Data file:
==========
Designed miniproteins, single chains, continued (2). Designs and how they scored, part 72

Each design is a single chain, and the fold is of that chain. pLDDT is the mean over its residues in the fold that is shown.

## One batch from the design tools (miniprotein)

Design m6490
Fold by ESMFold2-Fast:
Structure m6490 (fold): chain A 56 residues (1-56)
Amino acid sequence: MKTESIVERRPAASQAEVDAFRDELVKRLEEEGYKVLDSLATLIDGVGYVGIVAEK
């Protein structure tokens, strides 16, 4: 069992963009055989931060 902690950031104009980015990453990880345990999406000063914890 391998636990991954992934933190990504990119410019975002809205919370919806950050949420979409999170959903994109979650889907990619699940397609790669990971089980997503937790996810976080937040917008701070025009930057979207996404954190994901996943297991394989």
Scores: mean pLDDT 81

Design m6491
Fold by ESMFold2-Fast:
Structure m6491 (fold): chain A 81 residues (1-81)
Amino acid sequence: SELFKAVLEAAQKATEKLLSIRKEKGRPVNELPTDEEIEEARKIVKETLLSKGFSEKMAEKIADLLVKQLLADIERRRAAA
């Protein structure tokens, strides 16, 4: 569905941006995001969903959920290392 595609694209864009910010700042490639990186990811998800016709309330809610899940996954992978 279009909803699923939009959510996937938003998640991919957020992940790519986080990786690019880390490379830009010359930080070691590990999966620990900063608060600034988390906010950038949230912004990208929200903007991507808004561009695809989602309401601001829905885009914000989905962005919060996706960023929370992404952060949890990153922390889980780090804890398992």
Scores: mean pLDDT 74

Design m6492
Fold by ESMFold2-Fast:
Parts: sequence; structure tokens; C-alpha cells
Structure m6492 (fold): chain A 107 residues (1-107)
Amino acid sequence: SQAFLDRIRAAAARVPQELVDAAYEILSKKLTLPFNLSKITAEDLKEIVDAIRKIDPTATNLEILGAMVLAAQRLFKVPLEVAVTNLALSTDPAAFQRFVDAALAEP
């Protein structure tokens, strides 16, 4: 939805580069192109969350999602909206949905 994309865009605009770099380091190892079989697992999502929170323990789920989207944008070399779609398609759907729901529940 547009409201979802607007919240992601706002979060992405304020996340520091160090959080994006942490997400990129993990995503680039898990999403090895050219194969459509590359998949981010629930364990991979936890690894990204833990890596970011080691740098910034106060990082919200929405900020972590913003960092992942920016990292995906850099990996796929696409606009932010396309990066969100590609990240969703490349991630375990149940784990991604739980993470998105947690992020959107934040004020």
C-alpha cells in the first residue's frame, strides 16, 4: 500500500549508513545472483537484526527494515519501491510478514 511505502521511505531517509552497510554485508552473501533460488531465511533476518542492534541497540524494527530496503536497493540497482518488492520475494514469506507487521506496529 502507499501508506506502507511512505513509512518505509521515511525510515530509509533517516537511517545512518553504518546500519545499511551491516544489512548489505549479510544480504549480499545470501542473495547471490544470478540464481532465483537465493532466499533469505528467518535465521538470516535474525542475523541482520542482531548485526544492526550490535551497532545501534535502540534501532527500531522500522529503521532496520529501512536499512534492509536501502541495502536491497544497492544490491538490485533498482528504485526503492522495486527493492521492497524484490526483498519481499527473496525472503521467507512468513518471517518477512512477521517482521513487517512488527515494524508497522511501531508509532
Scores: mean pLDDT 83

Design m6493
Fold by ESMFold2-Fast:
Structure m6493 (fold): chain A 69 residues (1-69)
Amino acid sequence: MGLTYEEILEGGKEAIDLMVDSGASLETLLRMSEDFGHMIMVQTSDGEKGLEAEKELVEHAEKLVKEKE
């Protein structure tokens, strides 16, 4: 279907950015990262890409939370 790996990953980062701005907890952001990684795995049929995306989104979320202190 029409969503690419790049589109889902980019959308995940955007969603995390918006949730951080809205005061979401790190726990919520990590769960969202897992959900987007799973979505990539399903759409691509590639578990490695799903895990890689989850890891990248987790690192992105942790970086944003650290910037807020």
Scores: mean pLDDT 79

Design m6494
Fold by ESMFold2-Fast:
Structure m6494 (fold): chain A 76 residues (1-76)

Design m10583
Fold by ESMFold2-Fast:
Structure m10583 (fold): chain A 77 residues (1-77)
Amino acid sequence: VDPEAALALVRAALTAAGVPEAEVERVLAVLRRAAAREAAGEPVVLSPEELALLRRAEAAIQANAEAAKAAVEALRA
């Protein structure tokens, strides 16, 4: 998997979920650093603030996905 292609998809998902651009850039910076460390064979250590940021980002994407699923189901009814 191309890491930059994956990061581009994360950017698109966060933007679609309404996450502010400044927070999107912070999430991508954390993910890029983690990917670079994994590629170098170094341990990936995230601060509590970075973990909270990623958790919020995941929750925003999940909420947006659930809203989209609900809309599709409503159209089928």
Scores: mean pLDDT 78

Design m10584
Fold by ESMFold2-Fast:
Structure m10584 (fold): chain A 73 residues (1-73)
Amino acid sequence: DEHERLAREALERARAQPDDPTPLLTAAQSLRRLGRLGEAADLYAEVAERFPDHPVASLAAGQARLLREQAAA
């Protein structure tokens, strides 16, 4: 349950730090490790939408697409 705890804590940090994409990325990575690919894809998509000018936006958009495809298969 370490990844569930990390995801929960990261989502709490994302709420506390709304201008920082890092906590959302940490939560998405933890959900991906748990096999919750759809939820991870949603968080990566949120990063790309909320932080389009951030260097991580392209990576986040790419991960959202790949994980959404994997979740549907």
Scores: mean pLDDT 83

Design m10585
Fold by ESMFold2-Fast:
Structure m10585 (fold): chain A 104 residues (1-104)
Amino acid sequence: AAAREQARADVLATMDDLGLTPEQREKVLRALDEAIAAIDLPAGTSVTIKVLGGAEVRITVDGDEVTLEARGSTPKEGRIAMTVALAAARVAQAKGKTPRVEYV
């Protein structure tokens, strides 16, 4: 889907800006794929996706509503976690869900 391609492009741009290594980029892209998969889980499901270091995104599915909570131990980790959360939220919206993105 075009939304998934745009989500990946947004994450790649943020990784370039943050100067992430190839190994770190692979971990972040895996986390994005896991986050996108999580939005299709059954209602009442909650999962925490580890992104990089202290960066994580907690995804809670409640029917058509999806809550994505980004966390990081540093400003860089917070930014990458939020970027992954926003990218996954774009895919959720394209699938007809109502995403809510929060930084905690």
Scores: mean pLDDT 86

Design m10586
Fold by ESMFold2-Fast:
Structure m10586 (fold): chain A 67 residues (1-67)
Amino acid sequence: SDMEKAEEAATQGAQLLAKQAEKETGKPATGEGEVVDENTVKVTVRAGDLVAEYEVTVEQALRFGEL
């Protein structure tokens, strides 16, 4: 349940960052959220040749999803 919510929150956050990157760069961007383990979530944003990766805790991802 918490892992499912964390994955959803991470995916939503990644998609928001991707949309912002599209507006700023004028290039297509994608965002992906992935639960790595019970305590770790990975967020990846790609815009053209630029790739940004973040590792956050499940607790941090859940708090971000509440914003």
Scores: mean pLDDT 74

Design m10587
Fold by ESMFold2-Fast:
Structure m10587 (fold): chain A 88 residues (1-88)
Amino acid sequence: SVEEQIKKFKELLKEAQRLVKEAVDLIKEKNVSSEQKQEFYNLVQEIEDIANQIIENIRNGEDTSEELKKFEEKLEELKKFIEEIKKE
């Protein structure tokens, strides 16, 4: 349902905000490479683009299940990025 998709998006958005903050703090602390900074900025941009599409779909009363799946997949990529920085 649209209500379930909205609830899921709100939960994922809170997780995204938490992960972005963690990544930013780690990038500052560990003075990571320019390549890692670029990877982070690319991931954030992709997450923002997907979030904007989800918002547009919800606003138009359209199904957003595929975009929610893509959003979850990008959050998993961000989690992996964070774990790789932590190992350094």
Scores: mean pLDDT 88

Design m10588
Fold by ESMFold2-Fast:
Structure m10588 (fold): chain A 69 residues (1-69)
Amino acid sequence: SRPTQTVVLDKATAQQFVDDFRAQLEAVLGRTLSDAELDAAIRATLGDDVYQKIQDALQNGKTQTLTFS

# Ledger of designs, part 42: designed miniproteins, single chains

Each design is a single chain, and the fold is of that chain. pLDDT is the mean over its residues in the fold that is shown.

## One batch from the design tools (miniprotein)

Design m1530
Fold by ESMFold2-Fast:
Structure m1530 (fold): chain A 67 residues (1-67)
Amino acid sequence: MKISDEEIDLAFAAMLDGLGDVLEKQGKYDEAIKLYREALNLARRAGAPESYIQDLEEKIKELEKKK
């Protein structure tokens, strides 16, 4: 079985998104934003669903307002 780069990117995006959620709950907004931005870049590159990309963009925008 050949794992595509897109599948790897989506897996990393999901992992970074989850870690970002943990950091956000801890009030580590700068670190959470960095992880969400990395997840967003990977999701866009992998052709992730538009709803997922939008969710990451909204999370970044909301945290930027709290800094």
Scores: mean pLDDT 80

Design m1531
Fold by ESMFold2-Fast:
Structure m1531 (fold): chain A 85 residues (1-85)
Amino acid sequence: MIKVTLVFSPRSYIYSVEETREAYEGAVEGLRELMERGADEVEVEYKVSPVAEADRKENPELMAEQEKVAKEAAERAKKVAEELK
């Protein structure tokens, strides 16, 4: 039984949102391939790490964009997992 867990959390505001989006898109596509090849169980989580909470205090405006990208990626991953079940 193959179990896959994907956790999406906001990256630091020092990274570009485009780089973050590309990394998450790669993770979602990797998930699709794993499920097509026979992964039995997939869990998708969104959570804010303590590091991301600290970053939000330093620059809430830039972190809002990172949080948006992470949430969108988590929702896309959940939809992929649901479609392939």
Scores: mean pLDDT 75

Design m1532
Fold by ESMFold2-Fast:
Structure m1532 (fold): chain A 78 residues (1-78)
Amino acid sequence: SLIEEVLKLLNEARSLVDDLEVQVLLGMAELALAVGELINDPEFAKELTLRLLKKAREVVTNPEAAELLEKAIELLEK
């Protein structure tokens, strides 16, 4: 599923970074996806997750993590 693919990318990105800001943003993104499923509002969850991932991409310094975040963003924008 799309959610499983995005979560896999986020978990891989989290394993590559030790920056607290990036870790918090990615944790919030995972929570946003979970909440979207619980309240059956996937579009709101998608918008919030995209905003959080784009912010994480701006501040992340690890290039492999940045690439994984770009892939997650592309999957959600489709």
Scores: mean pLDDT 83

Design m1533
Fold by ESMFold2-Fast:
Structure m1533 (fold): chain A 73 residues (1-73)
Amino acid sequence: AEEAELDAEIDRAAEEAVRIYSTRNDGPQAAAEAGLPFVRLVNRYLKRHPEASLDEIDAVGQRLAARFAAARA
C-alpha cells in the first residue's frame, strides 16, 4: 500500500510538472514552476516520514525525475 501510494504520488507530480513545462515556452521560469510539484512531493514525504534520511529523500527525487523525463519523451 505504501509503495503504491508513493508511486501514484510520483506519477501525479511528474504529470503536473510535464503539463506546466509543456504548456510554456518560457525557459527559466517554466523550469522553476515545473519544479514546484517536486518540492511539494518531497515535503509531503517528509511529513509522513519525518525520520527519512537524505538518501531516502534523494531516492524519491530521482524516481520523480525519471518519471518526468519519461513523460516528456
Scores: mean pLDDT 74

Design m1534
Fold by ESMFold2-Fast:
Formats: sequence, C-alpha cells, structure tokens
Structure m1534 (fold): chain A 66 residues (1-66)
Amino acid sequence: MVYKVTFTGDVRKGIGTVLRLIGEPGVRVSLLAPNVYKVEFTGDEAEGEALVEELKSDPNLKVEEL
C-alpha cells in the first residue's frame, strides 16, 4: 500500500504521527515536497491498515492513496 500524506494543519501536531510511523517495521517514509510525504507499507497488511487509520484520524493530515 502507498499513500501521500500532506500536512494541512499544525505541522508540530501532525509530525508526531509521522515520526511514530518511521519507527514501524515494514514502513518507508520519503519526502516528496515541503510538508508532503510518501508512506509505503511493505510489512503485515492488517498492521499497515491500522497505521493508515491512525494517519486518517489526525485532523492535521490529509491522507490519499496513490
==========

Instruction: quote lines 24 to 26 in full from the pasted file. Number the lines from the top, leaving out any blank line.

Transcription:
Design m6493
Fold by ESMFold2-Fast:
Structure m6493 (fold): chain A 69 residues (1-69)